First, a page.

Discover the D-Day landing beaches | Hotel Château Saint-Gilles
Situated a few kilometres from the D-Day beaches, Bayeux, capital of the Bessin region, was the first town to be liberated by the Allies in 1944. It is also one of the few towns in Normandy to have been spared the fighting of the Battle of Normandy. This is why it still has a rich architectural and cultural heritage. In the heart of this heritage, discover the Château Saint-Gilles hotel, a haven of peace in the heart of the Normandy countryside.
Beaches with a rich history
On 6 June 1944, the Allies landed on the beaches of Normandy, bringing the Second World War to an end. Since that day, these beaches, which saw the Allied troops arrive from the sea on the morning of 6 June, have had a strong historical and symbolic importance. In January 2018, France submitted an application to have these five beaches classified as Unesco World Heritage sites.
The Hotel Château Saint Gilles, located only 20 minutes by car from Omaha Beach and Gold Beach, as well as near the D-Day Museum, offers an ideal location to discover the beaches.
Surrounded by steep cliffs and heavily defended, Omaha was the beach where the D-Day fighting was most severe. Unlike the other beaches, the aerial bombardment did little damage to the heavily fortified German positions. To make matters worse, the surf took its toll on the Allied landing craft and only two of the 29 amphibious tanks launched into the sea managed to reach the shore. American infantrymen in the first waves of the attack suffered heavy losses from German machine guns. American General Omar Bradley even considered abandoning the operation. Slowly but surely his men began to cross the beach to the relative safety of the sea wall at the foot of the cliffs and then up the cliffs themselves. They were assisted by a group of Army Rangers who climbed a huge promontory between Omaha and Utah to eliminate artillery hidden in an orchard, and American warships that came dangerously close to shore to fire shells at the German fortifications. By nightfall, the Americans finally secured the beach and the Allied position.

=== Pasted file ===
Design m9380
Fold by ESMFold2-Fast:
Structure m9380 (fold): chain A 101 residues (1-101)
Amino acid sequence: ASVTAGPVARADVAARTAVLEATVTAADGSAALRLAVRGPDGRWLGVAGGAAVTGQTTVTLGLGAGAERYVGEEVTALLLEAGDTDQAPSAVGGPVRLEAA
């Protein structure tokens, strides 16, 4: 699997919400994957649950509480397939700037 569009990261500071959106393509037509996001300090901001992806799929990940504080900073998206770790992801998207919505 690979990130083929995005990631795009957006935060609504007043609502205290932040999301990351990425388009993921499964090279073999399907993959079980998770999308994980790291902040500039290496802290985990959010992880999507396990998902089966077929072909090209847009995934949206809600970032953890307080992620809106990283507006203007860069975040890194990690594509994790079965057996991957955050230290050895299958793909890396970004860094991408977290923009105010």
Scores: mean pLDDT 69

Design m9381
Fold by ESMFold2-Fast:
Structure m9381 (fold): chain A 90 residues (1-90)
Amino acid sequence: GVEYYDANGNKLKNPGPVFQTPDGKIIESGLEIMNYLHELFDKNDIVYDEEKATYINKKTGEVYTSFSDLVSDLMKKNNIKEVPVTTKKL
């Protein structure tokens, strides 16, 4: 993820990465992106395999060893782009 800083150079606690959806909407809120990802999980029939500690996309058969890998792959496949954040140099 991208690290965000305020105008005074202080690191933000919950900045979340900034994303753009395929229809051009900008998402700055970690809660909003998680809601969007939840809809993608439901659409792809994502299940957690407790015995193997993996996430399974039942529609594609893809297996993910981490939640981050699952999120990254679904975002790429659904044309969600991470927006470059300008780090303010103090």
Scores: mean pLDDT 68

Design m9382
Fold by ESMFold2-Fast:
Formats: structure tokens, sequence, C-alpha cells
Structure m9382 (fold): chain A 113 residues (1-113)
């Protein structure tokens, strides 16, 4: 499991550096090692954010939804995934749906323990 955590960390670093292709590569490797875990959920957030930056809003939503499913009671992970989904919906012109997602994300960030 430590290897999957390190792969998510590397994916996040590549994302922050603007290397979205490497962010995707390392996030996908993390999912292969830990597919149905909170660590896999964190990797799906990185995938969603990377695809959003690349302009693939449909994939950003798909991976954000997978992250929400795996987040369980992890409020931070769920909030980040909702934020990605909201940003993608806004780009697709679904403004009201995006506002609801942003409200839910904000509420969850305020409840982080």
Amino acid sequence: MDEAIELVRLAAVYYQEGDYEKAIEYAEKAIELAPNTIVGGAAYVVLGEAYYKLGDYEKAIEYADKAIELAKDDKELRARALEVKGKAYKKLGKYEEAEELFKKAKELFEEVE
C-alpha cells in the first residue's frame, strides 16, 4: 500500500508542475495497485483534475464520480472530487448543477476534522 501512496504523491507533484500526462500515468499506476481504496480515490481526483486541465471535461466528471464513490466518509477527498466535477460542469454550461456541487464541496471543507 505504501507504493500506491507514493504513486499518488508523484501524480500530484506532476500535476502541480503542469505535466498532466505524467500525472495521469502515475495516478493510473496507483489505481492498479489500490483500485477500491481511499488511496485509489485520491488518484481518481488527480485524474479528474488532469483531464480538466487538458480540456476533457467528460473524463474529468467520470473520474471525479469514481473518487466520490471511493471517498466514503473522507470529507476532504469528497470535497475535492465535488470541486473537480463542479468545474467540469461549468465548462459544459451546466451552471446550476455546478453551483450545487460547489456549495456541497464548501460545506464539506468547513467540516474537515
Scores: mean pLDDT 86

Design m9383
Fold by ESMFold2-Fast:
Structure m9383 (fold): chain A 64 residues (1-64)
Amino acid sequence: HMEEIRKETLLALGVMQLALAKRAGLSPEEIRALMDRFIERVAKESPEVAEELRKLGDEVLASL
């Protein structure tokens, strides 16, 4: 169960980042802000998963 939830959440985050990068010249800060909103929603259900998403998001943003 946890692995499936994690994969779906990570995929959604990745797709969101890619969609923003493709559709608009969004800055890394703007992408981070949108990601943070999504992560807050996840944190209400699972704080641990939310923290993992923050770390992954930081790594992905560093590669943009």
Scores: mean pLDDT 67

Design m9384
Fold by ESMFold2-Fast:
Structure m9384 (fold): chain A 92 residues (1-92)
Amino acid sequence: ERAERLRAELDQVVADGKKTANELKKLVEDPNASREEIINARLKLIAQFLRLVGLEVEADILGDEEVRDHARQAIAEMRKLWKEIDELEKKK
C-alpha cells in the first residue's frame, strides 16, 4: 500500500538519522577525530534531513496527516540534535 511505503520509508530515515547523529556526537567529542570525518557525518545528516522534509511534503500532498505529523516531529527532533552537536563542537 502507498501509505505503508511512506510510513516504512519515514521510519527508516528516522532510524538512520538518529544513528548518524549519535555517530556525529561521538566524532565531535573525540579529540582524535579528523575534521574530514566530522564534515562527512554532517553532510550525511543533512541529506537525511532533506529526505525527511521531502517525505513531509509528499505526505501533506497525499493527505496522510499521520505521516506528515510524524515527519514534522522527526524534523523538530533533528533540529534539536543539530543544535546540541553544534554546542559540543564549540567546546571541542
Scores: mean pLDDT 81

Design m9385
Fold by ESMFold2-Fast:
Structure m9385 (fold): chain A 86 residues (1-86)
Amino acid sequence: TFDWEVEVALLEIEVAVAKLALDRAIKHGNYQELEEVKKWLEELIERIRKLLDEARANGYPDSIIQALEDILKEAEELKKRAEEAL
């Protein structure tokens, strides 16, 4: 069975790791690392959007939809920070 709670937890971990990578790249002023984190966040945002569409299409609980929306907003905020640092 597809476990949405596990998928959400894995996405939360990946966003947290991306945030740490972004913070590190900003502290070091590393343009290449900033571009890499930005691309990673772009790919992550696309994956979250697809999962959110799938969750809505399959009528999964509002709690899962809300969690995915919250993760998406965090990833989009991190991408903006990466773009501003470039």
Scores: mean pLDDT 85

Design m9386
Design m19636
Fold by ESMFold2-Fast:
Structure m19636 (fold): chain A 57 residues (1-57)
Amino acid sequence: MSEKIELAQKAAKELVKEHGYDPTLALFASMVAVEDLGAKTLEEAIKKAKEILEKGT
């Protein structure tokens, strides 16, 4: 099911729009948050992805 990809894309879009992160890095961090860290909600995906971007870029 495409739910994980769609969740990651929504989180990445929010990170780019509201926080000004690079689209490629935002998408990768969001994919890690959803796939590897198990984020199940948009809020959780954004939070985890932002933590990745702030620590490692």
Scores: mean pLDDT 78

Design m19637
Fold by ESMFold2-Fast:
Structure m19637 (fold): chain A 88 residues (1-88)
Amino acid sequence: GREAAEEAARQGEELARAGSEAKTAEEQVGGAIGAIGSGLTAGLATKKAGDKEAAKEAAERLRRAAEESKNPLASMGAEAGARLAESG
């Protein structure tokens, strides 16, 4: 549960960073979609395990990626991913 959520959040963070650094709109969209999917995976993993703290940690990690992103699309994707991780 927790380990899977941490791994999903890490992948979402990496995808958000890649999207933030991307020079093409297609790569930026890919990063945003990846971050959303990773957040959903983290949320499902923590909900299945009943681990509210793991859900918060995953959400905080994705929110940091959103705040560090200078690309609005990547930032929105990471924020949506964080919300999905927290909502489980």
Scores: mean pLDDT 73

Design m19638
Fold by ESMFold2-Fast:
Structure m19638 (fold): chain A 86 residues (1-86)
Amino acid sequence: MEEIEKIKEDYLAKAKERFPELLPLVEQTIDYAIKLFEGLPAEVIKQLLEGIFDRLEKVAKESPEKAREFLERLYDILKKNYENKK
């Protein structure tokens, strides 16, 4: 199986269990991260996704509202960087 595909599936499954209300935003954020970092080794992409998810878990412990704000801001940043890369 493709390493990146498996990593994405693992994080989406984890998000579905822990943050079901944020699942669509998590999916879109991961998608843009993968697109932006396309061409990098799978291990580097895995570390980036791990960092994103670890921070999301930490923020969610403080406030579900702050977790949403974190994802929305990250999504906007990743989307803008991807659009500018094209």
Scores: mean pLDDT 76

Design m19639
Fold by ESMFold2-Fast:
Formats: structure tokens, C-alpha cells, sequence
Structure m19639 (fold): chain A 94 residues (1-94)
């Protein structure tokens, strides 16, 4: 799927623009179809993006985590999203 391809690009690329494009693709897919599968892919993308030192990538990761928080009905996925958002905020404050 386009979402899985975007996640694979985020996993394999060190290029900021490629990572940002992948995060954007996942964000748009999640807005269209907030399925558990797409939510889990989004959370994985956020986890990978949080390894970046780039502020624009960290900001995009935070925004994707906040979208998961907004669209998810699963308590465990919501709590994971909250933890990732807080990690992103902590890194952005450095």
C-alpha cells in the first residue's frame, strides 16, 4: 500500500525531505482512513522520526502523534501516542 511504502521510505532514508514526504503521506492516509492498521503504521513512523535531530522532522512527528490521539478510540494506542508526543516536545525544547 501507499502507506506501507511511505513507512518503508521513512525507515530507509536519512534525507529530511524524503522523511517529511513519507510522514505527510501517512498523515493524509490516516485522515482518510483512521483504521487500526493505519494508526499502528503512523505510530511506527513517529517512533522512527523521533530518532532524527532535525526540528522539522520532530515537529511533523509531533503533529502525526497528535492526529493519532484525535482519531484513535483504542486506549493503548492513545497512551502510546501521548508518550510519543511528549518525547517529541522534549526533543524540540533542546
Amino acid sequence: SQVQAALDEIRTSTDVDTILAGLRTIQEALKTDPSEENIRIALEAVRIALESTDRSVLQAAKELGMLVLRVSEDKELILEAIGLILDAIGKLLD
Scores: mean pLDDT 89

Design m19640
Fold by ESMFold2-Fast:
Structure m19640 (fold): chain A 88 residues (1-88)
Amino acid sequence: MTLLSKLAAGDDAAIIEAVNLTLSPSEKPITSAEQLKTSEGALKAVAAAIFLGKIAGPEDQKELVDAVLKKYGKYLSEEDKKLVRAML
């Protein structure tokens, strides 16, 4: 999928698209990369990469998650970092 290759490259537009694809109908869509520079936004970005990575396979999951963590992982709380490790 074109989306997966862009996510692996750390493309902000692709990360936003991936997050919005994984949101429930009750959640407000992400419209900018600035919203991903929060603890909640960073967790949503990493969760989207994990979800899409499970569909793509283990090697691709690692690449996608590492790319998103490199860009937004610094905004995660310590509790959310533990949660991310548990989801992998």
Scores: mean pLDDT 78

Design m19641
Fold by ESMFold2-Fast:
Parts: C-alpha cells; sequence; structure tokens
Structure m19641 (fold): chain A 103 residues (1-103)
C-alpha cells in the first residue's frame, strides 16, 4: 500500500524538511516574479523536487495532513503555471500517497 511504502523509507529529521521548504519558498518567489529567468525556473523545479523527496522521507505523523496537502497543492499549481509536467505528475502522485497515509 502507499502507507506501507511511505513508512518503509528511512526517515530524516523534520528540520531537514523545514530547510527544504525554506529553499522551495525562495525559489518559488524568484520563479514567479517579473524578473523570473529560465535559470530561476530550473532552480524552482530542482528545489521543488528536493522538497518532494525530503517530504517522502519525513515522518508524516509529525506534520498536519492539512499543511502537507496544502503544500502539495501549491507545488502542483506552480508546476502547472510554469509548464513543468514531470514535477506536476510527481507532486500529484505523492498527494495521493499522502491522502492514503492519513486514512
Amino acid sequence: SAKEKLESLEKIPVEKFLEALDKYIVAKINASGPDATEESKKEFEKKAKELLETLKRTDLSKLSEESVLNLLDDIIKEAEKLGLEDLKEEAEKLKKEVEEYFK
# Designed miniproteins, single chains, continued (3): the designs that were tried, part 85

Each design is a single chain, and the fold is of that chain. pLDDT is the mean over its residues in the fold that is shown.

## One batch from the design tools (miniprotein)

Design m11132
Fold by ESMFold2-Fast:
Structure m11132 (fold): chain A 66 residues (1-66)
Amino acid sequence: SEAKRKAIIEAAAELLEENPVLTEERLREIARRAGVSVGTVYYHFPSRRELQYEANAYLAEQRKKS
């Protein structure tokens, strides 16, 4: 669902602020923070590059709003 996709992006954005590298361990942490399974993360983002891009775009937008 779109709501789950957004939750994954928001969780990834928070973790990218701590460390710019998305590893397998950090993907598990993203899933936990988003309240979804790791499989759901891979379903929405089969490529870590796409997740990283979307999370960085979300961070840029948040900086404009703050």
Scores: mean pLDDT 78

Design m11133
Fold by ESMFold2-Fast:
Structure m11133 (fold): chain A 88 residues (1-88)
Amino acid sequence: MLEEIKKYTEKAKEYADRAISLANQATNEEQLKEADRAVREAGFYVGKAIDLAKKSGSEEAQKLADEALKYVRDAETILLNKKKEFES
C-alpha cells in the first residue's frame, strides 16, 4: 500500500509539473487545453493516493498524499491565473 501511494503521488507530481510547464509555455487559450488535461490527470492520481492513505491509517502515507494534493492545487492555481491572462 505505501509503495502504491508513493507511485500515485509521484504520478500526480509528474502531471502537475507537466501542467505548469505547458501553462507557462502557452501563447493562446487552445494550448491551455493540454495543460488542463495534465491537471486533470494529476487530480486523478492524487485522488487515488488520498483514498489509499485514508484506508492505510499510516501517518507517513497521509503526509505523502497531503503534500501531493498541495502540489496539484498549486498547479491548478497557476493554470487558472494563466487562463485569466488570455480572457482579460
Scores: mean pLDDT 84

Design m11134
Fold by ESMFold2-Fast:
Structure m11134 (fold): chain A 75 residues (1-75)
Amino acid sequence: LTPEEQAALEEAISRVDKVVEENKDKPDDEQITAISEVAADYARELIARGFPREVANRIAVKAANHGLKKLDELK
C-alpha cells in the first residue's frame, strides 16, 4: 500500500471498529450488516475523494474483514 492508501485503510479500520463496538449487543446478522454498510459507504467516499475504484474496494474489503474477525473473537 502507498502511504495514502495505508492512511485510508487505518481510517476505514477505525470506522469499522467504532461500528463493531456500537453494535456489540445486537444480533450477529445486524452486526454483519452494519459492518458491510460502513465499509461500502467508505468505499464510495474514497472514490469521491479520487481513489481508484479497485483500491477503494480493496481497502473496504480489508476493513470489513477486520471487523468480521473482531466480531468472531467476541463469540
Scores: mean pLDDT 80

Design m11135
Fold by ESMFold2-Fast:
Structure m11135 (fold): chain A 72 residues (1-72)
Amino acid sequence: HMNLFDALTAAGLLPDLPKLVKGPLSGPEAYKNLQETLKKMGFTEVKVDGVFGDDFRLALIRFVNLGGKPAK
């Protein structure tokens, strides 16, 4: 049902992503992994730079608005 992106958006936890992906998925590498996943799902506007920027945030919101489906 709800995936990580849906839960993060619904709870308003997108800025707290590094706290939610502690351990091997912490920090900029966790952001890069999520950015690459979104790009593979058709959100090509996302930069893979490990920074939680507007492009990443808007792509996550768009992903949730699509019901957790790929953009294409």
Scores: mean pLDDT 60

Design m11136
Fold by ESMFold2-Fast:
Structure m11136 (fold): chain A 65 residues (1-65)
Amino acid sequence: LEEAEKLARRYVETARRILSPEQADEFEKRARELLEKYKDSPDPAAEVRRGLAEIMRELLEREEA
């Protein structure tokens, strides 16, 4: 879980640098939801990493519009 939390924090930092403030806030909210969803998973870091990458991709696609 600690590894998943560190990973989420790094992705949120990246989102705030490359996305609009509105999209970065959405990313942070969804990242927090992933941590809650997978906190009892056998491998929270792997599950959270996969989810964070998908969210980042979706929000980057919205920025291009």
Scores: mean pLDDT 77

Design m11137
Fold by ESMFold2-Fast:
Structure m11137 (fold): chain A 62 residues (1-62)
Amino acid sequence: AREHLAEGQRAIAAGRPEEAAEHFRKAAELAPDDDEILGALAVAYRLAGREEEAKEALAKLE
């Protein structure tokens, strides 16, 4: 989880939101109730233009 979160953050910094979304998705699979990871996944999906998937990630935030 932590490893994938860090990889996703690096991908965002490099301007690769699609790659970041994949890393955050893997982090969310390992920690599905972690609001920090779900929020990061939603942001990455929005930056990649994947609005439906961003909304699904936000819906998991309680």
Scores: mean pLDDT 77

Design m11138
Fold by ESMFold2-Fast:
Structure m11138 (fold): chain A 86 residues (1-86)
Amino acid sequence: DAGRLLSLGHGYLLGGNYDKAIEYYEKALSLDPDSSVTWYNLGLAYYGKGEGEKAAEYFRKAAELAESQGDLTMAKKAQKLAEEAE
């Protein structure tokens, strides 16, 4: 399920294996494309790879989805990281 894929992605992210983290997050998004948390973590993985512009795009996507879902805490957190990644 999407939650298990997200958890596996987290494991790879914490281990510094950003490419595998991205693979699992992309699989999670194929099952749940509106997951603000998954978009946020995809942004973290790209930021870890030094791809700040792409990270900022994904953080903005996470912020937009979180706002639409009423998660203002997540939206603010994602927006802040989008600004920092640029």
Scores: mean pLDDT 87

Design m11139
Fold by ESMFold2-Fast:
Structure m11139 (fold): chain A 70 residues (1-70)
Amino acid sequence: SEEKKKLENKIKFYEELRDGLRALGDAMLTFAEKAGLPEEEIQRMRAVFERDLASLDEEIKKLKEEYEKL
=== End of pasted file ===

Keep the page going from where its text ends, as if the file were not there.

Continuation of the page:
Because of the tides, British troops began to storm Gold, the second of the five D-Day beaches, almost an hour after the fighting had begun at Utah and Omaha. The Germans initially put up strong resistance, but unlike Omaha, an earlier aerial bombardment had destroyed much of their defences. British warships were also very effective. Meanwhile, on the coast, armoured vehicles called 'Funnies' cleared minefields and other obstacles. Within an hour the British had secured several exits from the beach, and from there they pushed rapidly inland. They also captured the fishing village of Arromanches, which a few days later became the site of an artificial harbour used by the Allies to unload supplies.